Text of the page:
January 28, 2016

Where Trees Don’t Grow To Heaven

A report from the Real Deal on New York. “Chinese investors only really started piling into New York’s commercial real estate market two years ago, and The Real Deal proclaimed 2015 the ‘year of the Chinese investor.’ But now, a growing number of developers argue the party may already be over. ‘We should be looking for other sources of capital over the next few years,’ Jeff Blau, CEO of the Related Companies, said at a 2016 real estate outlook conference hosted by ULI New York Wednesday morning. Related received bids from all over the world to recapitalize the first Hudson Yards tower by Tuesday, Blau said, but Chinese investors were notably absent. ‘We got probably 10 bids to recap, but no Chinese,’ he said.”

“Leslie Himmel, a principal at Himmel + Meringoff Properties, suggested that a slowdown in luxury apartment sales to foreigners could doom condo projects and ultimately spill over into the office market, pushing down prices. ‘Are we going to go back to basics,’ she said, ‘where trees don’t grow to heaven and where we will be able to buy at a four, or five or six cap?’”

The Los Angeles Times on Texas. “Of 40,000 estimated jobs lost in the oil and gas sector in the Houston area last year, many were on the west side, including about 13,000 white-collar professionals. On the west side, luxury town homes sit empty, and million-dollar homes that once sold within 48 hours linger on the market weeks later. Clark Martinson, general manager of the Energy Corridor District, has friends who have taken early retirement, sold summer homes or unloaded their homes here and moved into rentals. ‘People were happy, living fat, and now it’s leaner,’ he said.”

“Doug Poteet, an offshore engineer, complained that ‘massive layoffs’ have forced friends with decades of experience in the oil industry to go to work for UPS, Uber and car dealerships. ‘If this goes on another year, you’re going to start to see foreclosures,’ he said.”

WVVA on West Virginia. “As the coal industry declines and jobs begin to disappear, housing markets in southern West Virginia feel the strain. Raleigh County is no exception. ‘800 houses on the market, real estate for sale, and what does that tell you? A lot of people are leaving. I know one public service district here locally has 97 empty houses,’says Dave Tolliver, Raleigh County Commission president.”

“The risks for the housing market lie in foreclosures as money dries up but also in the amount of houses popping up for sale. ‘Typically when someone gets laid off and they don’t have a chance of being called back to work, they’ll try to get their house on the market and get it sold. Obviously if too many come on the market, supply and demand kicks in and that pushes the prices down,’ says Mike Tyree, broker owner at Century 21 First Choice.”

KFYR TV on North Dakota. “After several years of rapidly increasing home prices in the Bismarck-Mandan area, prices are now stabilizing. The area is now in what one realtor describes as a corrective market. Alliance Real Estate’s Patsy Chapman says this correction began about 18 months ago. ‘When the market is escalating, it just seems like a lot of people have buyer’s remorse later on. This time, they’re able to step back and give a little more thought to their purchase, so I think it’s a win for everyone,’ Chapman said.”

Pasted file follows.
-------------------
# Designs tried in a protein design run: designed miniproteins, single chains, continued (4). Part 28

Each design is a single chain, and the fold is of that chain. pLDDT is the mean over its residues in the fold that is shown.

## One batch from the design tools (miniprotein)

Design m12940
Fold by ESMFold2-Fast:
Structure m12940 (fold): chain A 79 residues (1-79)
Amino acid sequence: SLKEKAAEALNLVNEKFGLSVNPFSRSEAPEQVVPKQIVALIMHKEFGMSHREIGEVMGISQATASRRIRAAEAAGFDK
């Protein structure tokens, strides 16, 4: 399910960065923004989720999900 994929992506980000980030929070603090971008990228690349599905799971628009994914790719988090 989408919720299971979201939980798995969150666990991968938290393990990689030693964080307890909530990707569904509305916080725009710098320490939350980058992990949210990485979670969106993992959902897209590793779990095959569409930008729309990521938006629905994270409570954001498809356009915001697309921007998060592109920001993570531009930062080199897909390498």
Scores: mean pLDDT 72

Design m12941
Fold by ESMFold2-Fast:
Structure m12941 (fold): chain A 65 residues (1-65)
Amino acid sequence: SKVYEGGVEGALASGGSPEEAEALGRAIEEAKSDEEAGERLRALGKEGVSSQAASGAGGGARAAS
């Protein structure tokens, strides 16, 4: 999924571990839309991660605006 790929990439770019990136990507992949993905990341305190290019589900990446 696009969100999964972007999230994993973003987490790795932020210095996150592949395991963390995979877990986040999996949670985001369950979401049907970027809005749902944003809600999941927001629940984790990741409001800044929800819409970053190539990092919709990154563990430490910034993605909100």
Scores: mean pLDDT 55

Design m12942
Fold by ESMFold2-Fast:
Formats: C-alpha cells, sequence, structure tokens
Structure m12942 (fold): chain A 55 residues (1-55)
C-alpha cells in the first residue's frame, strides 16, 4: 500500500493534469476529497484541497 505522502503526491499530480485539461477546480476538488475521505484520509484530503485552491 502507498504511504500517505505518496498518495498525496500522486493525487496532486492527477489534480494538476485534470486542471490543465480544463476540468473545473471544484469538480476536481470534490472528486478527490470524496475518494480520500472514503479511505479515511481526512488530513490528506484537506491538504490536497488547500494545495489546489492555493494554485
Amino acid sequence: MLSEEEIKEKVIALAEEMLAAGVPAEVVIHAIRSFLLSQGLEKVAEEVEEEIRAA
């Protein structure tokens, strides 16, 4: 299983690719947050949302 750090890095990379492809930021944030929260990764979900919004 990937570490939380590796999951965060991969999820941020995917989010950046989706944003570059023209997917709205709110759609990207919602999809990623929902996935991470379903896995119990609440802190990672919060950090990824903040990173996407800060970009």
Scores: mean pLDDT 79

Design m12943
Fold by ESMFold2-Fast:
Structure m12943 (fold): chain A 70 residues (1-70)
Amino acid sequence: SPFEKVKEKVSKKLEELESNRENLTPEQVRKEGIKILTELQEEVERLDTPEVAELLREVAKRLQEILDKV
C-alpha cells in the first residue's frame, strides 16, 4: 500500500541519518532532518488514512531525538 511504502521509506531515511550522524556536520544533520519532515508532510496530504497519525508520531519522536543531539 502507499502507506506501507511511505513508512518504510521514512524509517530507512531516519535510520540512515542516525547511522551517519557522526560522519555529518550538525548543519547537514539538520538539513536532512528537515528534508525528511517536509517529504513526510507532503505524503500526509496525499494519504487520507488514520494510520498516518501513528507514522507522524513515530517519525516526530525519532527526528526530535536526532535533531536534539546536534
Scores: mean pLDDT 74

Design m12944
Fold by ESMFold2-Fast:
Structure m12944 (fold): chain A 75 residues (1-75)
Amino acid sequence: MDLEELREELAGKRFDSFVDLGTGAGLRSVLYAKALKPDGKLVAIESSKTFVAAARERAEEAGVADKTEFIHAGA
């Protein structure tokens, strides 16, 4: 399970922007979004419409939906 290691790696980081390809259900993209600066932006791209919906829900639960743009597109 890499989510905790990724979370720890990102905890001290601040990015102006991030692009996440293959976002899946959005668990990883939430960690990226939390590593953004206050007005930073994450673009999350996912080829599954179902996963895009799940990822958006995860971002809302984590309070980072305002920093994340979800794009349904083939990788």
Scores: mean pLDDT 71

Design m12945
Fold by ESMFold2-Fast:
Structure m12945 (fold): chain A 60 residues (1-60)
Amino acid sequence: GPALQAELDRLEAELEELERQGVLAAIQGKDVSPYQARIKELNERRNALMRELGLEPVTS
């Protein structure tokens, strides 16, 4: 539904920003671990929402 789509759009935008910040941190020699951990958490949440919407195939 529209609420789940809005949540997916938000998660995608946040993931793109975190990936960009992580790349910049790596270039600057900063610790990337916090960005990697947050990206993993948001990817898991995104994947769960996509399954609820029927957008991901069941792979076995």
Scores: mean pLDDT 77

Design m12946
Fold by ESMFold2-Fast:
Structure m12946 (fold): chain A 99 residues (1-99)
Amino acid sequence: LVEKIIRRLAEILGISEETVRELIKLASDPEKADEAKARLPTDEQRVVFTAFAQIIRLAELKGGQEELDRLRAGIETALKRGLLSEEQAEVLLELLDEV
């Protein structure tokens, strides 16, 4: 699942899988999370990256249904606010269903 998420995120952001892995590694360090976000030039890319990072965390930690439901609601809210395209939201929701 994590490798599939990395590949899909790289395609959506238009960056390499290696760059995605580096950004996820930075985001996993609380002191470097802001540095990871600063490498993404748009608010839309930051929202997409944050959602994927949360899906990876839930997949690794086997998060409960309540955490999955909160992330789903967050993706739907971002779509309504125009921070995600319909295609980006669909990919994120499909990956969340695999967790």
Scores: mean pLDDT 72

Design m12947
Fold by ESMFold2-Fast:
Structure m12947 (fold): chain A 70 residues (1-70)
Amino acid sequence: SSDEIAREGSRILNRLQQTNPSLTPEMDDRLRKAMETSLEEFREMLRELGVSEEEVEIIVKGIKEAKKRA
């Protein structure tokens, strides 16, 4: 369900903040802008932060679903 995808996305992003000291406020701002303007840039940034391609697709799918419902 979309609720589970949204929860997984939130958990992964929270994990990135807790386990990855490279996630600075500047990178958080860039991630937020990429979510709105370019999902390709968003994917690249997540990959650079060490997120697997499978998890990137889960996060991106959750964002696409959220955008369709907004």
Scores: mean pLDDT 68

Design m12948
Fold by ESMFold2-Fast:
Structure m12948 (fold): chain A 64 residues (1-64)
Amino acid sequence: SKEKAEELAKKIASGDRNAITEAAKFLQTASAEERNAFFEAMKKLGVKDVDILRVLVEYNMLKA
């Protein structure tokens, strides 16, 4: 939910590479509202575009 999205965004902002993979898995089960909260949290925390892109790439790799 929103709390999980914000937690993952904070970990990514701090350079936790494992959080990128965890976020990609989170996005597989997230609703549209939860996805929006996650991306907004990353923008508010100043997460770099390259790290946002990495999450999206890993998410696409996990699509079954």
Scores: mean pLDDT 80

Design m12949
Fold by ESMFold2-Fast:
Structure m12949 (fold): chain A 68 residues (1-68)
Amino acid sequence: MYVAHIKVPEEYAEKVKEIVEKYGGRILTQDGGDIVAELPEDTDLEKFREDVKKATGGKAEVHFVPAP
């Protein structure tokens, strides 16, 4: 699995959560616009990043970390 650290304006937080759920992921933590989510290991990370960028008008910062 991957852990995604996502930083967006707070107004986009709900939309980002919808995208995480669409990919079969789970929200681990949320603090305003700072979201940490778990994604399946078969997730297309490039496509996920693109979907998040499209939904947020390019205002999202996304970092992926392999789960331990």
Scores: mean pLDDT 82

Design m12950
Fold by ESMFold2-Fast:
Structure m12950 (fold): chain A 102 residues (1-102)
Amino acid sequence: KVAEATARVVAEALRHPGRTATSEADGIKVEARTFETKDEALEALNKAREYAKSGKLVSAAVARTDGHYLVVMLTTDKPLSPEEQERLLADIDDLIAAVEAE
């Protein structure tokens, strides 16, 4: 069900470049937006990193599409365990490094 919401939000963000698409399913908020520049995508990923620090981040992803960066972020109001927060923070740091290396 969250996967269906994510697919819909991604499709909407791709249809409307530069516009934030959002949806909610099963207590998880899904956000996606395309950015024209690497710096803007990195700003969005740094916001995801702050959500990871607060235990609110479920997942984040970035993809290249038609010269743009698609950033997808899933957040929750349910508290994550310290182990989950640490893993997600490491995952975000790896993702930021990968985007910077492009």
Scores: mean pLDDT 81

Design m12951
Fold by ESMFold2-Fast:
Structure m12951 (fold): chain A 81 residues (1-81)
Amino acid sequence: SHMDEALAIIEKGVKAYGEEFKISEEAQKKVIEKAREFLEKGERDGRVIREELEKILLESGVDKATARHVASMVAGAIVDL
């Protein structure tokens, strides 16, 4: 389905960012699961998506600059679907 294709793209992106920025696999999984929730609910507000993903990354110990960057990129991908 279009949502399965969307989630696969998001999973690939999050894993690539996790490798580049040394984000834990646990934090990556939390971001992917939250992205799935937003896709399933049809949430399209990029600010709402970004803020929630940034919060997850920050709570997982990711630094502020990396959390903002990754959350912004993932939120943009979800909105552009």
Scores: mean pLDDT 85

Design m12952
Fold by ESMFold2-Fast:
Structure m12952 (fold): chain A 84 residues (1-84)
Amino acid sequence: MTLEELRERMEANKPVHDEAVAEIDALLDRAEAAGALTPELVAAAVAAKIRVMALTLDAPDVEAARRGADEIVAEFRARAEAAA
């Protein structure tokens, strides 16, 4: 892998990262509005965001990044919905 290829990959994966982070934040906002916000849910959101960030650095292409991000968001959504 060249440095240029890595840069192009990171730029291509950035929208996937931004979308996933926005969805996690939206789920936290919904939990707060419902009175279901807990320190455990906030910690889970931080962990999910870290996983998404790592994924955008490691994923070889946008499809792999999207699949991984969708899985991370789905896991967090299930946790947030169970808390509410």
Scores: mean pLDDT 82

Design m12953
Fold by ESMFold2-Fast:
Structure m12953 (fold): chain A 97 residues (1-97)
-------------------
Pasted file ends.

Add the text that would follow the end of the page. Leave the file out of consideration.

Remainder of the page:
KTNV in Nevada. “A vacant store that had recently been turned into a ‘homeless condo’ according to neighbors is now boarded up. Clark County sent crews out to secure the property just days after Action News contacted them about the problem that nearby businesses say has been going on for a month. Clark County Commissioner Chris Giunchigliani says she sees the problem all over the valley, including in many vacant homes. ‘If you think about it in housing, you’ve got so many out of state property owners or banks that don’t give a hoot,’ Giunchigliani said.”

From CBS News. “Back-stopping the nation’s banking system was the top federal priority during the height of the 2008 financial crisis. But out of the $475 billion that Congress authorized for the Troubled Asset Relief Program (TARP), $46 billion was supposed to help millions of struggling families avoid foreclosure. In 2013, Christy Goldsmith Romero, special inspector general for TARP, warned that homeowners were defaulting on their modified loans at an ‘alarming rate.’ In the IG’s most recent quarterly report to Congress in September 2015, the rate of default on these reset mortgages increased greatly over time.”

“For borrowers who first sought mortgage relief under HAMP when the program was launched in 2009, the redefault rate is nearly 53 percent. Overall, more than a third of people who have participated in the program over its lifetime have redefaulted. ‘The longer a homeowner remains in HAMP, the more likely he or she is to redefault out of the program,’ Romero’s office concluded.”

“‘Nobody wants to deal with the reality that these mortgage modifications were not affordable long term,’ said Kathleen Engel, a research professor at Suffolk University Law School in Boston and author of ‘The Subprime Virus: Reckless Credit, Regulatory Failure and Next Steps.’ Said Engel: ‘[The mortgage modifications] were all predicated on the property values appreciating in value, but they actually declined.’”

Bits Bucket for January 28, 2016

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